What’s limiting SEA teams from consistently winning international LANs?

Shounak Sengupta

12th, Jan, 2019

While esports has seen a meteoric rise, both in terms of popularity and viewership, a majority of the success stories have come from western or Chinese teams/players. In comparison, SEA and much of Asia, have been a distant second, especially when it comes to performing in international competitions with major prize pools.

While the introduction of the DPC has meant that SEA teams get consistent slots at Majors and Minors, the results so far have been average at best. In the entirety of last season, only Mineski were able to get any silverware, with one Minor and a Major win. At TI8, SEA teams had a rough time with 2/3 getting eliminated in the last place. And it’s not just last season, SEA teams have always been regarded as underdogs and dark horses, and have not really been ever classified as world-class teams.

 Mineski's win at DAC 2018, although impressive was a one-off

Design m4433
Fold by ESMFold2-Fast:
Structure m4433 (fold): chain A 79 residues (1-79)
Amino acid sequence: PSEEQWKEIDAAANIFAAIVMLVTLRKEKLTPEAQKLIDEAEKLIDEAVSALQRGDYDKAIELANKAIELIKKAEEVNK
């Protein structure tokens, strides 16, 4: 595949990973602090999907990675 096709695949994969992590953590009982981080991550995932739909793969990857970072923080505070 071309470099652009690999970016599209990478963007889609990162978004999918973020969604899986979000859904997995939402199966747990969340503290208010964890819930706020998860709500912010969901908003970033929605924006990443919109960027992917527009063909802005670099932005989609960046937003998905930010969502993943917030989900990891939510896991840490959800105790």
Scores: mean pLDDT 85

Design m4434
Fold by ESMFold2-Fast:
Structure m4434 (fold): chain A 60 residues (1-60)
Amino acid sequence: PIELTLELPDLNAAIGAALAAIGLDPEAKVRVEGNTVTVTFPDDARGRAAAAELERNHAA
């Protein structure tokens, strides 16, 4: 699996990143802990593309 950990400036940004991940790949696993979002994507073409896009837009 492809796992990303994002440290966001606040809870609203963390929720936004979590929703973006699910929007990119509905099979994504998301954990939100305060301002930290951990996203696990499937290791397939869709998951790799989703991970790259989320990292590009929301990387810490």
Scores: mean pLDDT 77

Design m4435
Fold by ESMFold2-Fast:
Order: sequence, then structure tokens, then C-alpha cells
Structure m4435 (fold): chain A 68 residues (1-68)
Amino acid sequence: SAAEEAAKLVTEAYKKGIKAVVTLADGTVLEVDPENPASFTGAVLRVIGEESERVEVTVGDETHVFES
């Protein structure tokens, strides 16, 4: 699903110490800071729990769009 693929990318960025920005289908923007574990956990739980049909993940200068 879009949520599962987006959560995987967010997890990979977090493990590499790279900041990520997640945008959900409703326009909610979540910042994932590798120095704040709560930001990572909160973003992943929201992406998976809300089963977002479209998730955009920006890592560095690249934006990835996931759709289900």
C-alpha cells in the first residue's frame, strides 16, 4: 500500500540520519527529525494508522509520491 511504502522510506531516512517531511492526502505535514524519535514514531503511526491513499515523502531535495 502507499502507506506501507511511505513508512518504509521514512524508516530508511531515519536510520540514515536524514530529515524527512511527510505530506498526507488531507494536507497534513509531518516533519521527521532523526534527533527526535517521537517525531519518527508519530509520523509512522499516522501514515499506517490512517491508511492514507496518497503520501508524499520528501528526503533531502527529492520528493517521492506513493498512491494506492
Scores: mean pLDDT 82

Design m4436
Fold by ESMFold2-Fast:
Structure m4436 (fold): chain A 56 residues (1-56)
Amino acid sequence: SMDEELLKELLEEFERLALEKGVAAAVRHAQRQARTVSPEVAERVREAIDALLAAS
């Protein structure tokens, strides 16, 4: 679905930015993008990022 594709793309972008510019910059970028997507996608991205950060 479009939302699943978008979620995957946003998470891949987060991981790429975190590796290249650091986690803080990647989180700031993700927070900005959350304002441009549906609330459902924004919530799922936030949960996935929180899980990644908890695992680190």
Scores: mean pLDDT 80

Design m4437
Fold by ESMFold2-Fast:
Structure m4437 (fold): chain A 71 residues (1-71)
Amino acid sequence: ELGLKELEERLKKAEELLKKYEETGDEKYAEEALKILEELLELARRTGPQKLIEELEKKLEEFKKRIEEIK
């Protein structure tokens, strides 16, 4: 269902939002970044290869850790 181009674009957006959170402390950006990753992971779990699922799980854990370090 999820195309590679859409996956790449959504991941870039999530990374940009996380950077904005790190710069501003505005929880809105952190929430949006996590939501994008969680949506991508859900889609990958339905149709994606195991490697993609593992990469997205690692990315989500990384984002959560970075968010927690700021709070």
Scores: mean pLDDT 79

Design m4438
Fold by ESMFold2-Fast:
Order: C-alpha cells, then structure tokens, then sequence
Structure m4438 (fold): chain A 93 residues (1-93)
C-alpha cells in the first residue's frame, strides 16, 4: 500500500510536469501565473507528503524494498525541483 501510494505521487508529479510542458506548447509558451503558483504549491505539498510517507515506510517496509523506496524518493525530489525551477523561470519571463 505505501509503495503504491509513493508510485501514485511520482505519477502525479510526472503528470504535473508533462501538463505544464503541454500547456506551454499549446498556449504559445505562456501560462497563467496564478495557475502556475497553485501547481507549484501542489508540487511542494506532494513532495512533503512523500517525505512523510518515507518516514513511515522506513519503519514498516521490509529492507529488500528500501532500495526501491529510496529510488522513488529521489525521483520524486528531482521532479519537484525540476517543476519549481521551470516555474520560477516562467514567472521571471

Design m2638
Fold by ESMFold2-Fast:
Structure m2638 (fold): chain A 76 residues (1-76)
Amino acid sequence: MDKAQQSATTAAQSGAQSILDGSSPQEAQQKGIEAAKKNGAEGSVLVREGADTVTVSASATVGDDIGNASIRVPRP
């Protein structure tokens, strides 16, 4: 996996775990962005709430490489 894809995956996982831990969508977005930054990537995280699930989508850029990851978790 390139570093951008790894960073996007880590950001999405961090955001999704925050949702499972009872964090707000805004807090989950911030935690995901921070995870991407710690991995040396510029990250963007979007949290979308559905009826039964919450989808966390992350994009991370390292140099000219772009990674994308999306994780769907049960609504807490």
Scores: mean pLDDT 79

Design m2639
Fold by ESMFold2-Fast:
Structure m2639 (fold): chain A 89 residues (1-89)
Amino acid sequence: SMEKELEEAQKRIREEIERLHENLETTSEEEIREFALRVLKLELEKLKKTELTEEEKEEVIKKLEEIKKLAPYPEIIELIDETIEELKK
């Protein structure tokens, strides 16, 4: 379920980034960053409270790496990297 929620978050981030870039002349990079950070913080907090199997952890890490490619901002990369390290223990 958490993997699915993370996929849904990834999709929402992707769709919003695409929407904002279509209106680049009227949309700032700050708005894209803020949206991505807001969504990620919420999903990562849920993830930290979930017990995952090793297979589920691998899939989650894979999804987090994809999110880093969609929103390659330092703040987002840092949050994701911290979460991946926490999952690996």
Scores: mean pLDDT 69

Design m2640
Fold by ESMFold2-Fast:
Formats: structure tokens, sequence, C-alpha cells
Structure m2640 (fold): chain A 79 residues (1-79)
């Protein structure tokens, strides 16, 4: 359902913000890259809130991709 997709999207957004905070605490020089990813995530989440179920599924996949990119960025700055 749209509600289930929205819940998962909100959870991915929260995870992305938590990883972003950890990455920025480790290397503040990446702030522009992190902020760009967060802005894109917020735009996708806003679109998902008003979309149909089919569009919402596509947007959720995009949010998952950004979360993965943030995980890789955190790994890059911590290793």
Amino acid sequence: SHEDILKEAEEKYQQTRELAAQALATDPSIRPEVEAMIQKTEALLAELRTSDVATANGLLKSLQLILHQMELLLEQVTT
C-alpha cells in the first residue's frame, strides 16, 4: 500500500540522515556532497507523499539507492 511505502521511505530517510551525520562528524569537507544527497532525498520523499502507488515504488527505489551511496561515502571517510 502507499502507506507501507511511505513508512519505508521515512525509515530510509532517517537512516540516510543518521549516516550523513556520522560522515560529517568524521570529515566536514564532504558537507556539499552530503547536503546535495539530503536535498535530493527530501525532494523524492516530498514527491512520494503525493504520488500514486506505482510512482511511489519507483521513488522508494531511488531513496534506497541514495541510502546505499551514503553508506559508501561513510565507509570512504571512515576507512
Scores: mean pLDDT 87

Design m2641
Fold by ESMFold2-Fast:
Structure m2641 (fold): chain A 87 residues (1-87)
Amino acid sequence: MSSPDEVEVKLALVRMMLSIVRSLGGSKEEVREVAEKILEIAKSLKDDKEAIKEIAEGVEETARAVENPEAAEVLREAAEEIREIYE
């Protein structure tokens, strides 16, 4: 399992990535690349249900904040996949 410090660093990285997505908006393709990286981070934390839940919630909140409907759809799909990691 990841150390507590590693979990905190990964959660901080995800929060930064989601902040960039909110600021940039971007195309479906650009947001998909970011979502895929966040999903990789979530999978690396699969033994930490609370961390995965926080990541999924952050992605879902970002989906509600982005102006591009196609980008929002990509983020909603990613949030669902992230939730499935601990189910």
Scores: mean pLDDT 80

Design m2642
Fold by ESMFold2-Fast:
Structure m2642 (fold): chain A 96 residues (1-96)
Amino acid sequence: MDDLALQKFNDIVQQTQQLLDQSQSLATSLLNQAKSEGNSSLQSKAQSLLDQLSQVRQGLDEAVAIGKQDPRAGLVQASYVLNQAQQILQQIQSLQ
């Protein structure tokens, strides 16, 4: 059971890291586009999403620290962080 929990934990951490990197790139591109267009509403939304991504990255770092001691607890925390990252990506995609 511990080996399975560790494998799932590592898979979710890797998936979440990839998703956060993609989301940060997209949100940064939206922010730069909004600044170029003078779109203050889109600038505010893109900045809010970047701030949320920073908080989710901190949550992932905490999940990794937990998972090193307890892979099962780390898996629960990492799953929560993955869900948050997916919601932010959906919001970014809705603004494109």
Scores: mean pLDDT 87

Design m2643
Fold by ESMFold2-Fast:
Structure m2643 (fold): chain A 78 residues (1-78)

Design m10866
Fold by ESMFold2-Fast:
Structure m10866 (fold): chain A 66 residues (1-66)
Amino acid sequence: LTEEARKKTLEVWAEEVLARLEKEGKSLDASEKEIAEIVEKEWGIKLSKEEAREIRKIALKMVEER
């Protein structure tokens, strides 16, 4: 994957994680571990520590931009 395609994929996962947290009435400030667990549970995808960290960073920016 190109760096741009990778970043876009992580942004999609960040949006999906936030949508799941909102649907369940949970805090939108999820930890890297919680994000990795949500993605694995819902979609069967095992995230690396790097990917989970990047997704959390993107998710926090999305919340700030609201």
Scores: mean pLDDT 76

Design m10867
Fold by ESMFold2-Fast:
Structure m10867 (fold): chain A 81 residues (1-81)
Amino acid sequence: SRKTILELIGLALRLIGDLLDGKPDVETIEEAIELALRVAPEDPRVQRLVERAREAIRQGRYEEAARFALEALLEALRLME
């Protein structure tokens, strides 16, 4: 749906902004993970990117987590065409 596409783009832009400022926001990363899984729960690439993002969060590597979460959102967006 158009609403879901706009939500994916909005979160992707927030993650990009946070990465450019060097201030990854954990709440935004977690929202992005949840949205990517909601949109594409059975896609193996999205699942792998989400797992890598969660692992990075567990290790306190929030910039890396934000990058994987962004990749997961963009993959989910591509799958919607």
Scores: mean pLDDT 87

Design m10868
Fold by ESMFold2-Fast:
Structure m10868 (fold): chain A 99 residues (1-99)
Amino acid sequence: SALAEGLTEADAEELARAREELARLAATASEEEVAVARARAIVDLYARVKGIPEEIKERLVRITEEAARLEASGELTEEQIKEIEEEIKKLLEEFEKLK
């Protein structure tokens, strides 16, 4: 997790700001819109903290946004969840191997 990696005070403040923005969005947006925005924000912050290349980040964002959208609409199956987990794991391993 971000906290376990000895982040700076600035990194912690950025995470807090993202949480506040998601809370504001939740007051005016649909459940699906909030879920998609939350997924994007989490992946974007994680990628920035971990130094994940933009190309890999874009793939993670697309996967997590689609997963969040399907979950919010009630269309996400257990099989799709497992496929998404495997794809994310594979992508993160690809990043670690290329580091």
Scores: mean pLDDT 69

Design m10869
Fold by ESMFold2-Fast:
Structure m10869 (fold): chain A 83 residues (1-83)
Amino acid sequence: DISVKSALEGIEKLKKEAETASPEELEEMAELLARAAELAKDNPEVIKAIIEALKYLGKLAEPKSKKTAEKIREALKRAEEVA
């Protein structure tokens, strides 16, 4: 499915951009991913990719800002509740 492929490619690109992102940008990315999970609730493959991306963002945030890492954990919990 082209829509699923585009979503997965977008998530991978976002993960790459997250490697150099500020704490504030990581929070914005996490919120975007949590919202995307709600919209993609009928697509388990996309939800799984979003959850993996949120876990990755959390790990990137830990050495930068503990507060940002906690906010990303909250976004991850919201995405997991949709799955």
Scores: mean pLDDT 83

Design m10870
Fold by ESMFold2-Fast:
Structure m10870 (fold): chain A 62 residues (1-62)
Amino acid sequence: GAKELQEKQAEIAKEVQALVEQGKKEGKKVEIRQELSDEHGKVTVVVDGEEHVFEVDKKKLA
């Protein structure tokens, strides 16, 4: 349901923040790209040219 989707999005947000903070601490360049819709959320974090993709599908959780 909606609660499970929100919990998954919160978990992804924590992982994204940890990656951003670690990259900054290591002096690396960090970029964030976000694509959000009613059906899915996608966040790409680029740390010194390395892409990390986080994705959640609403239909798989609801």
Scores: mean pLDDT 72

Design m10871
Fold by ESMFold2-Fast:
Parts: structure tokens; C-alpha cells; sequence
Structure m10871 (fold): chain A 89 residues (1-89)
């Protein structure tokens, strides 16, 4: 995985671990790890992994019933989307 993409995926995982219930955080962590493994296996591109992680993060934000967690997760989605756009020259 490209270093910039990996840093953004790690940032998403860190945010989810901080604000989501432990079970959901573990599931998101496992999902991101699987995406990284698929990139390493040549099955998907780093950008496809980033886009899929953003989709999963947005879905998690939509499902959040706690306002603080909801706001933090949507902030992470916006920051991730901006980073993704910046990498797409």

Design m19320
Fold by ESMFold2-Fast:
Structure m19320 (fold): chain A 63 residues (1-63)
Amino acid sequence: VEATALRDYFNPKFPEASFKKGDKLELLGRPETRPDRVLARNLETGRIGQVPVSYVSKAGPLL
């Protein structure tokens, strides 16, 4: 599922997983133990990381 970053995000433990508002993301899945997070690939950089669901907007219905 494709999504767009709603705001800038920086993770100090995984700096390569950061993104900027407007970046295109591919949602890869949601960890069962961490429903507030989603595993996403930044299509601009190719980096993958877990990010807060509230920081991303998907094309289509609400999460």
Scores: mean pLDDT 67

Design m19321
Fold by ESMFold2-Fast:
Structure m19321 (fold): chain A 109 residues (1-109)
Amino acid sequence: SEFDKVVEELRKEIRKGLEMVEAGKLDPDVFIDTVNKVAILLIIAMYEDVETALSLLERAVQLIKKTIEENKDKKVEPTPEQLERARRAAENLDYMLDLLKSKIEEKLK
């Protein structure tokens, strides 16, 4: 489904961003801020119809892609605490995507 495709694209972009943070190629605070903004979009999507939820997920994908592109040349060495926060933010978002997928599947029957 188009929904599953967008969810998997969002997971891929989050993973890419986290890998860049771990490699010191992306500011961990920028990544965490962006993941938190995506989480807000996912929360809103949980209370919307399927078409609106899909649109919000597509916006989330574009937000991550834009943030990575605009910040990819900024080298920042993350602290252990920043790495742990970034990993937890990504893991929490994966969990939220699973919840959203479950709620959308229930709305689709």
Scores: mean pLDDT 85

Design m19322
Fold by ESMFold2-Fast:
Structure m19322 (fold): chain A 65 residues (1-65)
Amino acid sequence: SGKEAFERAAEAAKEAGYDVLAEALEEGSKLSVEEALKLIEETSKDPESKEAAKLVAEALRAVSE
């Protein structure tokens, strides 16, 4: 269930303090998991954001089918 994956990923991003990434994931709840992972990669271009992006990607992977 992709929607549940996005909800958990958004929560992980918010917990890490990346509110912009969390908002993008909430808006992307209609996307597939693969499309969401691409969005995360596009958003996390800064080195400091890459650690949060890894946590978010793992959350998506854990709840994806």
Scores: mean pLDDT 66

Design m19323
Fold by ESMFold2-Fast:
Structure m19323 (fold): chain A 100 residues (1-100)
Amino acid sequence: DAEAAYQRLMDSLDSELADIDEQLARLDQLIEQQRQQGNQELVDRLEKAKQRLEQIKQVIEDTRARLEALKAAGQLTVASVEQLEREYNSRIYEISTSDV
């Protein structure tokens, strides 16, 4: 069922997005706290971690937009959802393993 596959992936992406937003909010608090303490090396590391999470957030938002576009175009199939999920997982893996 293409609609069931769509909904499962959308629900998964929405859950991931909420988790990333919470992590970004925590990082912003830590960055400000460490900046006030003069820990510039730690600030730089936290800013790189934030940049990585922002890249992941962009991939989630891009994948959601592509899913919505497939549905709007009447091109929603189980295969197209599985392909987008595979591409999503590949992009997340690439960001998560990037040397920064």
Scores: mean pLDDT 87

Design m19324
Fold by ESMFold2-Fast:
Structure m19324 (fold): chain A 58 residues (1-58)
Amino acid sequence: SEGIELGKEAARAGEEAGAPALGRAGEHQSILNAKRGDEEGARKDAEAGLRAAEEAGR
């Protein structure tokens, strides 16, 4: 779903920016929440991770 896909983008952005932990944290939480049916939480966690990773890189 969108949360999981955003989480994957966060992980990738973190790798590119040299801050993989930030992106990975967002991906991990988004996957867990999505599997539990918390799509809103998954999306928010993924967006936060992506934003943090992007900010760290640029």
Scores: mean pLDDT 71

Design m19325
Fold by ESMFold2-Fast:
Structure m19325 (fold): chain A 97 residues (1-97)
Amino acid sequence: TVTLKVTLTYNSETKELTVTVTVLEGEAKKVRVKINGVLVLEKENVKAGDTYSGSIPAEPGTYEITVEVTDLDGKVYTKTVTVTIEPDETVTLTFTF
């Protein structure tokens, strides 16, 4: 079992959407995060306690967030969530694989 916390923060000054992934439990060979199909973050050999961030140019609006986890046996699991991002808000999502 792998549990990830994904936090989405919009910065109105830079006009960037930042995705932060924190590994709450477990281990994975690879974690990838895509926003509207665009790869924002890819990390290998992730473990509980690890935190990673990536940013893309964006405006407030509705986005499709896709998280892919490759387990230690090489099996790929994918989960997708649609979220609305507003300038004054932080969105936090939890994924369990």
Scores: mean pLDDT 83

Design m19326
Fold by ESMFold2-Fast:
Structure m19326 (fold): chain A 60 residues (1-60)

Image via VPesports 

In CS:GO, the situation is even more dire, as it’s not just SEA but all of Asia, including China who have struggled to keep pace with the likes of Fnatic, Faze, Na’Vi and Astralis. B.O.O.T [d]reamScape are one of the few teams who have been somewhat consistent along with the Chinese powerhouse, TyLoo, but barring them, few names come to mind.

We take a look at what has limited the ability of teams and players from the region to find the same level of success that teams from NA, EU and China have achieved and what can be done to overcome these limitations.

Late Bloomers

A simple answer to the problem is the fact esports arrived to the region much later than in the West. While there were certain pockets and niches which were aware of esports, the lack of reliable internet access and in general a culture of being alienated from global trends meant that a lot of gamers didn’t know about esports till a concentrated effort had been made to popularize the disciplines in the region. In the early days of esports, many of the LANs and tournaments were taking place in EU and NA and even if teams or orgs did know about them, the low prize pools certainly never made sense to travel and take part in these. And above all, the language barrier was also a major challenge as much of the information and content was only available in English or European languages which made it hard for consumers in SEA to access.